Some Notes on the Readings for Proper Eleven, Year A

The Sentence for today, “The kingdom of God is at hand; repent and believe in the Gospel,” is from Mark 1:15, and appears in today’s Gospel reading: when Jesus sends out his apostles he tells them to proclaim: “The kingdom of heaven is at hand.” (“Kingdom of heaven” is the more usual expression in Matthew.) Jesus’ teaching is centred on the thought of the kingdom; so must the Church’s be.

The Readings:
First Reading, Genesis 18. 1-15, 21.1-7:
On the “ordinary” Sundays of Year A the first lessons follow the stories of Abraham, Isaac and Jacob, the Patriarchs of Israel (to Proper 20), and then the story of Moses and the Exodus from Egypt (to Proper 33). Since these Sunday readings are selections, it would be very helpful if we all read the Genesis and Exodus so when we hear the readings in Church it will be clear where they fit into the whole story. This is a good method of home Bible-study, which can be done by individuals or by families.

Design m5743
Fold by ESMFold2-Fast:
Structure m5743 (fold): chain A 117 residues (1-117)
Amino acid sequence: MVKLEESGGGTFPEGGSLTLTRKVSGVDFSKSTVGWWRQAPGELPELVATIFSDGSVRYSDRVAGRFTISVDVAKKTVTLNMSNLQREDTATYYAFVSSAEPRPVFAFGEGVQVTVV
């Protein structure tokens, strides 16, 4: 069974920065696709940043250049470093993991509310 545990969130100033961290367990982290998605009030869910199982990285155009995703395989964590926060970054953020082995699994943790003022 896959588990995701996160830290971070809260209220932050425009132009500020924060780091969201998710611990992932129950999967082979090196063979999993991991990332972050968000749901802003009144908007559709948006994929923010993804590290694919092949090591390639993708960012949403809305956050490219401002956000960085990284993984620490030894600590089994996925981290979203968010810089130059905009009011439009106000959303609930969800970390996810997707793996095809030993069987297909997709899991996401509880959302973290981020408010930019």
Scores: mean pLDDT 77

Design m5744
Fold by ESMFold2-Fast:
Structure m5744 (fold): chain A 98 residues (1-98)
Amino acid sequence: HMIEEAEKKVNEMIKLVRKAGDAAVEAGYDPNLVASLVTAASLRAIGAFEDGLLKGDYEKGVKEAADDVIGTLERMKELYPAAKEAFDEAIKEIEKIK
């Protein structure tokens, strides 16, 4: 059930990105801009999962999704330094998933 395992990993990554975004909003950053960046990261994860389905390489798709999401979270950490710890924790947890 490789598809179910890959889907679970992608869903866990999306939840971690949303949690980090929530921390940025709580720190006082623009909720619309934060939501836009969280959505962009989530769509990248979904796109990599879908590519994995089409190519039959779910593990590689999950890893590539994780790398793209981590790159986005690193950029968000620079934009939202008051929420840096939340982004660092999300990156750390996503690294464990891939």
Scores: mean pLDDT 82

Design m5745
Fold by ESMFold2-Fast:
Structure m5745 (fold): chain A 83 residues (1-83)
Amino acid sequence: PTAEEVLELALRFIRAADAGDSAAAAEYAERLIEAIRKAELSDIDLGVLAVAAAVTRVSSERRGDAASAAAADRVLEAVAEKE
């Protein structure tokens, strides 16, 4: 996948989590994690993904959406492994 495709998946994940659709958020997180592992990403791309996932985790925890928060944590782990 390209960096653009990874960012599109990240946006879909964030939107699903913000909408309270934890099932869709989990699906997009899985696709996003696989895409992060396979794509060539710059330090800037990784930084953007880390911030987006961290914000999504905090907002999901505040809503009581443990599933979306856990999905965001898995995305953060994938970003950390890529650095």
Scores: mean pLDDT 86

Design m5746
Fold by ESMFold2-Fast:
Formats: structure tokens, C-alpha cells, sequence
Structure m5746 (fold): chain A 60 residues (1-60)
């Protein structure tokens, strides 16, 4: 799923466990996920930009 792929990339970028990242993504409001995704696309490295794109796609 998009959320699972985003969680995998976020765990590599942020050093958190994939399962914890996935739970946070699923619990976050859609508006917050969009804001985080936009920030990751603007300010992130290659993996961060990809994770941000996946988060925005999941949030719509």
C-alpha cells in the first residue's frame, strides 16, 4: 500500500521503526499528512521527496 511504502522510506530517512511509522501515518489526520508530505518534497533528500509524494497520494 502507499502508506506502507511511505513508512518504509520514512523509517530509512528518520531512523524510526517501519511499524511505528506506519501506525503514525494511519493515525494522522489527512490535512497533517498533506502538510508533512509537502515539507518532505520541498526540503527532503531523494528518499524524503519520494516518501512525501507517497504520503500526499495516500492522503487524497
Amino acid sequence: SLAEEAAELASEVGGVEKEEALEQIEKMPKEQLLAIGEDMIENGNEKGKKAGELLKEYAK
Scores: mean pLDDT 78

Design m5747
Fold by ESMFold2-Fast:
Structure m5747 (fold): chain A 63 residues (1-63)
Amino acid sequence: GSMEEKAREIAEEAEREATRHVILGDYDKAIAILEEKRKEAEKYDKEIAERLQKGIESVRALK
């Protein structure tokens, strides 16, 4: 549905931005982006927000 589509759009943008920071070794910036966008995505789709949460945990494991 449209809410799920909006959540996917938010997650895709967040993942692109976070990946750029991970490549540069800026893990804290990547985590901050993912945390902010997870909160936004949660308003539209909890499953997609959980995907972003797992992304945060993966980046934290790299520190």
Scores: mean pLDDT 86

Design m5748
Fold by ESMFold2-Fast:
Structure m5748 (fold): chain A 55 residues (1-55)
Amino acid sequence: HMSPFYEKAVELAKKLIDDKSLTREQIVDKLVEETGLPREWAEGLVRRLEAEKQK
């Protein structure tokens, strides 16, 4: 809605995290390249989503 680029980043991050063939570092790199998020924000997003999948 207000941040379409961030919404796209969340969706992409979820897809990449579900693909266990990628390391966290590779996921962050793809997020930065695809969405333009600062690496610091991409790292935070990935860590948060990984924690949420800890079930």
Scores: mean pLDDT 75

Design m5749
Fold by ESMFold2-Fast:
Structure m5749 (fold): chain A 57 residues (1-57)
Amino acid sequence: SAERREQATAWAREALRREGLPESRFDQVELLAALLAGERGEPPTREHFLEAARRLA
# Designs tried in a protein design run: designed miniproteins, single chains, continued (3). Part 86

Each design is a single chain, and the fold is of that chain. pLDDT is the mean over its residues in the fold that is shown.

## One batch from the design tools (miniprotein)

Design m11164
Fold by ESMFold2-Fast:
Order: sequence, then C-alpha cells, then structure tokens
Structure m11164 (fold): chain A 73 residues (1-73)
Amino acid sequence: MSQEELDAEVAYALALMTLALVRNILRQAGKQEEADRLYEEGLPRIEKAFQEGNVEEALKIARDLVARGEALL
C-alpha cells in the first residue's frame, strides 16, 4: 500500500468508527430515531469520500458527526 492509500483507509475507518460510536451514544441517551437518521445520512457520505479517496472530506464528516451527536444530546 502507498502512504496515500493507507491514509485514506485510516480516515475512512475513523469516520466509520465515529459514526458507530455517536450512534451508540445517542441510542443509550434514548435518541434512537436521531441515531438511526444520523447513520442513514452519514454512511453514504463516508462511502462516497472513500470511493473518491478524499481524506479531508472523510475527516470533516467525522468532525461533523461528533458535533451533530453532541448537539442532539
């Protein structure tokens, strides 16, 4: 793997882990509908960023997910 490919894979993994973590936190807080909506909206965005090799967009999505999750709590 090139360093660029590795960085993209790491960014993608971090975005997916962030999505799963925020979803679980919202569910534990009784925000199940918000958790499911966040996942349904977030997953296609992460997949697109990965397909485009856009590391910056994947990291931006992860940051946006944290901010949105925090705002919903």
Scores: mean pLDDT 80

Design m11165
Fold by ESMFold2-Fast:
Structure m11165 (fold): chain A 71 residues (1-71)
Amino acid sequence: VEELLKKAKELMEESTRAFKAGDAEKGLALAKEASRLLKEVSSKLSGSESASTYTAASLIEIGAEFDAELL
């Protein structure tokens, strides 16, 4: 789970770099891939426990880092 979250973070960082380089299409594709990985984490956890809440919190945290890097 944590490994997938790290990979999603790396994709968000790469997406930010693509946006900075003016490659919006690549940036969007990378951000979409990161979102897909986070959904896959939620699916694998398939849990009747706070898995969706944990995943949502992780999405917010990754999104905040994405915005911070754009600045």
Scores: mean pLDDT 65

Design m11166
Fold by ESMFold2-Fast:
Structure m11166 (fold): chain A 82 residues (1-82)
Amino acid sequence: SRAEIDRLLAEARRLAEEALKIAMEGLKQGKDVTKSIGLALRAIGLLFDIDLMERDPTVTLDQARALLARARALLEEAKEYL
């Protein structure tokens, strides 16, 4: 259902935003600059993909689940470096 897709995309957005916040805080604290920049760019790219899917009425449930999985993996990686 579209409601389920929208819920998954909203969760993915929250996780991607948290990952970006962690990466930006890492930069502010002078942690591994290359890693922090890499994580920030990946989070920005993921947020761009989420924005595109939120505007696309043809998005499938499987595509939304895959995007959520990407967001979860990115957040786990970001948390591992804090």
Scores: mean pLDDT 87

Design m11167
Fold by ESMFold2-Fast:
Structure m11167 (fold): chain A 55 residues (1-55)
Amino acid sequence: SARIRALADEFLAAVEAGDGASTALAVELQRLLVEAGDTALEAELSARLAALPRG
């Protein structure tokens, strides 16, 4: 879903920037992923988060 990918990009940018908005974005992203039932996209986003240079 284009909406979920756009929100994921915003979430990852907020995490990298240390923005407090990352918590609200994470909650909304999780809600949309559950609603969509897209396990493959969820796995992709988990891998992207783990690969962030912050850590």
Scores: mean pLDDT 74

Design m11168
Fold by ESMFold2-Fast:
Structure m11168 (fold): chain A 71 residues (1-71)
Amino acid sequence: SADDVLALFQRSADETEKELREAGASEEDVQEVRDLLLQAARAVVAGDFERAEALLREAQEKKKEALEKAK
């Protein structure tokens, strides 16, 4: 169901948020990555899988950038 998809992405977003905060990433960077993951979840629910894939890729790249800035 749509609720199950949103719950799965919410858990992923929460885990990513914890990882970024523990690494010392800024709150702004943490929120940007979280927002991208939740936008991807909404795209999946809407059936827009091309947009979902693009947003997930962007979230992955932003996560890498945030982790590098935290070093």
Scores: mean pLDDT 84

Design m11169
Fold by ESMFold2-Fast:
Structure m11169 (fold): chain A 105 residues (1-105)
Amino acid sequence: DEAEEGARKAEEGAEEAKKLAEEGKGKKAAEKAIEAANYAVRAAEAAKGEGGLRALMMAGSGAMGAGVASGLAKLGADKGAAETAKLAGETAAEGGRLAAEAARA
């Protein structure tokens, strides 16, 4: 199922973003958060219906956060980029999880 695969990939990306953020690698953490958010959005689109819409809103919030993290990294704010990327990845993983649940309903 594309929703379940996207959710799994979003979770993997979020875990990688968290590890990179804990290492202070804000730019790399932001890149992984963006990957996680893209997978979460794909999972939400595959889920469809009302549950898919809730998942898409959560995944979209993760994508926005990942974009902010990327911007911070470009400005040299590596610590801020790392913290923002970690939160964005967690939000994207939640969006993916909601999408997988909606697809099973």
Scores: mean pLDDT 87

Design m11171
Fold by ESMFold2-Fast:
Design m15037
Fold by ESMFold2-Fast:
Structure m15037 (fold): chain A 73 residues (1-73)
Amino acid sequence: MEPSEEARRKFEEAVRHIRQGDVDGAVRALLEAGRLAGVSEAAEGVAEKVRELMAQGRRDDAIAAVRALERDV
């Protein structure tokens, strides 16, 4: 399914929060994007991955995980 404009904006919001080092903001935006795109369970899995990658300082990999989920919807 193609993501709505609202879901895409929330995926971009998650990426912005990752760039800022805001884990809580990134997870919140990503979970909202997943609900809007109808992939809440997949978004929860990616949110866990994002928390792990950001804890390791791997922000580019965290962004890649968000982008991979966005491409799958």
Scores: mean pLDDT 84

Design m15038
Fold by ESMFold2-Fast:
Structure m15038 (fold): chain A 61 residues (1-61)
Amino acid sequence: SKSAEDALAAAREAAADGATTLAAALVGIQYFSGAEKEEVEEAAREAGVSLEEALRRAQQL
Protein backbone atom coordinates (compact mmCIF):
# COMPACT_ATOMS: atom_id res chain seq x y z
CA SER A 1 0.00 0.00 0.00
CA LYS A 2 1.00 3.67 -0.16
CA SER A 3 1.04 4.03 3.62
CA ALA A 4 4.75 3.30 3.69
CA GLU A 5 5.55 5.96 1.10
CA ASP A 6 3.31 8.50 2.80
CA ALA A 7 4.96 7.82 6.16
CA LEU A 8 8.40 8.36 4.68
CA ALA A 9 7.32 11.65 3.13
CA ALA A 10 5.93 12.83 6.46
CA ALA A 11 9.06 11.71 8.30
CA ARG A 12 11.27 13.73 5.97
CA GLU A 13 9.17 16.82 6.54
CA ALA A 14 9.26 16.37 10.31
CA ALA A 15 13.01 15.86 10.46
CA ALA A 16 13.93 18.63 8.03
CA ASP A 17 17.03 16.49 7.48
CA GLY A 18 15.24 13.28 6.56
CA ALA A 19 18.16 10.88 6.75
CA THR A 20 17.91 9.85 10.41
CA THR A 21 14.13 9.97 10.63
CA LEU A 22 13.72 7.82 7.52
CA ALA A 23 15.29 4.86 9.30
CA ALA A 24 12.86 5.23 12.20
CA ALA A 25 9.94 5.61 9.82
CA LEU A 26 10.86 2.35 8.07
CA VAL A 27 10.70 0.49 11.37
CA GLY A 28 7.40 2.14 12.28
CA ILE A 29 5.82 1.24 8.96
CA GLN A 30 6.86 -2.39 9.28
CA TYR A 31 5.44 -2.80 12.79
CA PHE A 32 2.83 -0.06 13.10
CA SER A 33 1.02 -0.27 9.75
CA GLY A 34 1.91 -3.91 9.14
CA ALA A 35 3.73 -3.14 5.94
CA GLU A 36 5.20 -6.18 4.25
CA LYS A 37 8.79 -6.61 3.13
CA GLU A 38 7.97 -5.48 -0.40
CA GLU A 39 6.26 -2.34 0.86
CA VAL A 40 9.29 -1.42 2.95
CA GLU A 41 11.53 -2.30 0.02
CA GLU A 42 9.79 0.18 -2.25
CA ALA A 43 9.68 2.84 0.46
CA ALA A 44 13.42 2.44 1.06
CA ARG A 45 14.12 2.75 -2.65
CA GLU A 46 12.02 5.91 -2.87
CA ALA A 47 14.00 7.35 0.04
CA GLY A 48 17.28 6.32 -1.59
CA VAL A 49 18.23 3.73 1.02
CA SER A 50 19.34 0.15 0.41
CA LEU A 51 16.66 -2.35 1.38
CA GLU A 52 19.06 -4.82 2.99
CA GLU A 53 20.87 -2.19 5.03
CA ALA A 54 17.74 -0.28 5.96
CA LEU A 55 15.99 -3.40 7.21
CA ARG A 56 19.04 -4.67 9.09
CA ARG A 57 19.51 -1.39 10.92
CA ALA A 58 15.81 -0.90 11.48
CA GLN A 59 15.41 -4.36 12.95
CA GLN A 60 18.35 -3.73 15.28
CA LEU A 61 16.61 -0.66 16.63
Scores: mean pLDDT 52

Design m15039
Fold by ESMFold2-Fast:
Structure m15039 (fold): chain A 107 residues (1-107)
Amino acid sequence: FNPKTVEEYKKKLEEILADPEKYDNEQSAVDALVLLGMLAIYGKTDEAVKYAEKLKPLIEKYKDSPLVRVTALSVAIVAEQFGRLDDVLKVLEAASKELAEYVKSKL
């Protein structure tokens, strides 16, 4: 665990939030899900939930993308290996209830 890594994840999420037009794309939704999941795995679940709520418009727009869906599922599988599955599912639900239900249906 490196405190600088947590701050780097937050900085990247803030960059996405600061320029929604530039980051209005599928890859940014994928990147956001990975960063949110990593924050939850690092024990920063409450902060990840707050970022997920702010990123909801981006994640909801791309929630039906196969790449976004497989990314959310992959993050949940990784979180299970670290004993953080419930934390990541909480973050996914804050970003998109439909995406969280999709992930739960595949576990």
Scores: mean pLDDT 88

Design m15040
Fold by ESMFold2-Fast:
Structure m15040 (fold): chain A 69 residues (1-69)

Last Sunday we began to read the story of Abraham, and heard how he answered God’s call and migrated to the land of Canaan. Today we continue with the story of the birth of Isaac. When God promised Abraham that he would be the father of a great nation, Abraham was already seventy-five; now he is almost a hundred. Not knowing how else the promise should be fulfilled, he had a son by his Egyptian servant Hagar, the boy Ishmael. God said that Ishamel would become a great nation, but that the promise he made would come through a child of Abraham and Sarah. Abraham laughed at this (17:15-17; compare today’s reading, 18.12-15). God commanded Abraham to circumcise himself and his son Ishmael (17.22-end).
Today’s passage begins with an appearance of the Lord to Abraham, technically known as a “theophany” (18.1). Three men appear, and in typical oriental courtesy Abraham greets them with honour and offers them hospitality. (18.2-8). A rabbinic commentary says that the “servant” (literally “boy” or “youth”) who prepared the calf was Ishmael, who was now about fourteen years old. When they had eaten, the visitors asked about Sarah. Although Abraham has been talking to the three men, suddenly we are told that “the Lord” promised that she would have a son (18.10). At this Sarah laughs, and is upbraided for her lack of faith. It is important to know that the name Isaac means “he laughs”.